Trainers join clients in preparation for 5K race
November 1, 2016
Thousands of runners will compete in the Indianapolis Monumental Marathon on Saturday, but members of the School of Physical Education and Tourism Management will have their eye on 20 in particular -- their Pounce the Pavement trainees competing in the five-kilometer race.
Pounce the Pavement was introduced this fall as part of PETM's "150 Days of Impact" initiative.
"We were brainstorming ideas about our 150th-anniversary celebration, and a lot of the celebration is right around the Indianapolis Monumental Marathon this year," said Rachel Swinford, clinical assistant professor at PETM and the instructor for students participating in Pounce the Pavement. "We brought up the idea of what would happen if we did a running program with our students.
"It's a higher-level class for exercise science and fitness management students. If any of the honors students in the class are interested in participating in an eight-week program, they meet once a week, one-on-one, and train with an adult who's interested in running the 5K."
Students in the School of Physical Education and Tourism Management are training runners for the 5K race in the Monumental Marathon this week, running with them as they prepare.
That little brainstorming idea grew beyond what Swinford initially expected and, with so many members of the campus community keen on joining the program, she extended the opportunity to all of the students in her class. Now 20 duos of students paired with faculty, staff or PETM alumni are training together in the two months leading up to the race.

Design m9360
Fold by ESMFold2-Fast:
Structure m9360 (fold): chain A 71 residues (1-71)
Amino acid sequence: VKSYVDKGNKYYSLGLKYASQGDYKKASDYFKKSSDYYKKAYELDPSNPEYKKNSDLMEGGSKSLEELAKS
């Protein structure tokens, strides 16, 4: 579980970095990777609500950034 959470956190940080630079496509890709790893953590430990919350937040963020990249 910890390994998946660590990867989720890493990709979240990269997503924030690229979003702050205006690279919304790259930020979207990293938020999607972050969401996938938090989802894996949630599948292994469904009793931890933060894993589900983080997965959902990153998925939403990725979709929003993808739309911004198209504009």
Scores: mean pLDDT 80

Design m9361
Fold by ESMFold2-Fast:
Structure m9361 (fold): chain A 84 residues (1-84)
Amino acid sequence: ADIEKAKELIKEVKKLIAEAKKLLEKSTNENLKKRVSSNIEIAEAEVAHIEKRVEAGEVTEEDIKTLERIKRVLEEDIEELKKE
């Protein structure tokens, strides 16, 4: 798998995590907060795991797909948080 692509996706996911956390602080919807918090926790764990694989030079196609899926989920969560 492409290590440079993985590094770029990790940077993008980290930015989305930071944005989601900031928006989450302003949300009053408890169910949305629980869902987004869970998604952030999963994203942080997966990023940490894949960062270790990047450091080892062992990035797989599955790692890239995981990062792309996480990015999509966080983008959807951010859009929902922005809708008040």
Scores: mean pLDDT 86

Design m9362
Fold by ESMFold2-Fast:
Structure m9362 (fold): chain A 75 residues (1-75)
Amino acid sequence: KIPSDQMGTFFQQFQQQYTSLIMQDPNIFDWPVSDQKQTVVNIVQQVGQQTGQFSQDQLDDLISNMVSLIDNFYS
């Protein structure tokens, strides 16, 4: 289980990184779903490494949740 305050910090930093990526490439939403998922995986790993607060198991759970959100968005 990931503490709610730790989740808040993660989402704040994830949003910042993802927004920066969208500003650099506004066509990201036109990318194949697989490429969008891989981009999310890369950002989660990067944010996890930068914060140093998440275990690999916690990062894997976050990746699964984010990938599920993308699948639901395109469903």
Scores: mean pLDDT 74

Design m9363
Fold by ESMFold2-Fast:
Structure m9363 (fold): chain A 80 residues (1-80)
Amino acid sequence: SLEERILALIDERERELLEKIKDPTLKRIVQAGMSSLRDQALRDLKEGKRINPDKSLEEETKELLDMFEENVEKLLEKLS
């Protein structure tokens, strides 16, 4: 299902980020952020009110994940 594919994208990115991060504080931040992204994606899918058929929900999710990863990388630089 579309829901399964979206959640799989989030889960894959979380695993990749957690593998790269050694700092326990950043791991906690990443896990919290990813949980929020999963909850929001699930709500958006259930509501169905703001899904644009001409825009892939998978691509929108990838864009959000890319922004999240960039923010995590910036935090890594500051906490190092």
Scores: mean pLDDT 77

At the beginning of their journey, students outlined regimens to help trainees develop the stamina and speed to complete five kilometers. While some are looking to improve their race times, most trainees -- and some students -- are novice runners.
A training plan for one client, whose goal is to do a combination run/walk in the 5K, includes runs ranging from just under two miles to three-and-a-half, workouts of walking for up to an hour, interval training and regular rest days. There are also periodic time trials to monitor trainees' endurance progress.
Students are asked to run with their clients, learning not only how various people respond to the plans, but also what it takes to complete the program themselves.
"From an educational standpoint, they realize the difference in understanding how to design a program compared to actually implementing a program," said Swinford. "They learn the individuality aspect of training and how everyone is different. We have 20 different teams, so we have 20 different running programs. No two are the same."
Those behind Pounce the Pavement hope to spark a lifelong commitment to healthy activity."I hope that (trainees) would have the confidence to be able to keep training for and running 5Ks on their own," Swinford said. "That's what it's really about, teaching people how to move more and be more physically active. A lot of times we hear the number-one reason people don't work out is because they don't have enough time. The second reason is because they don't know what to do."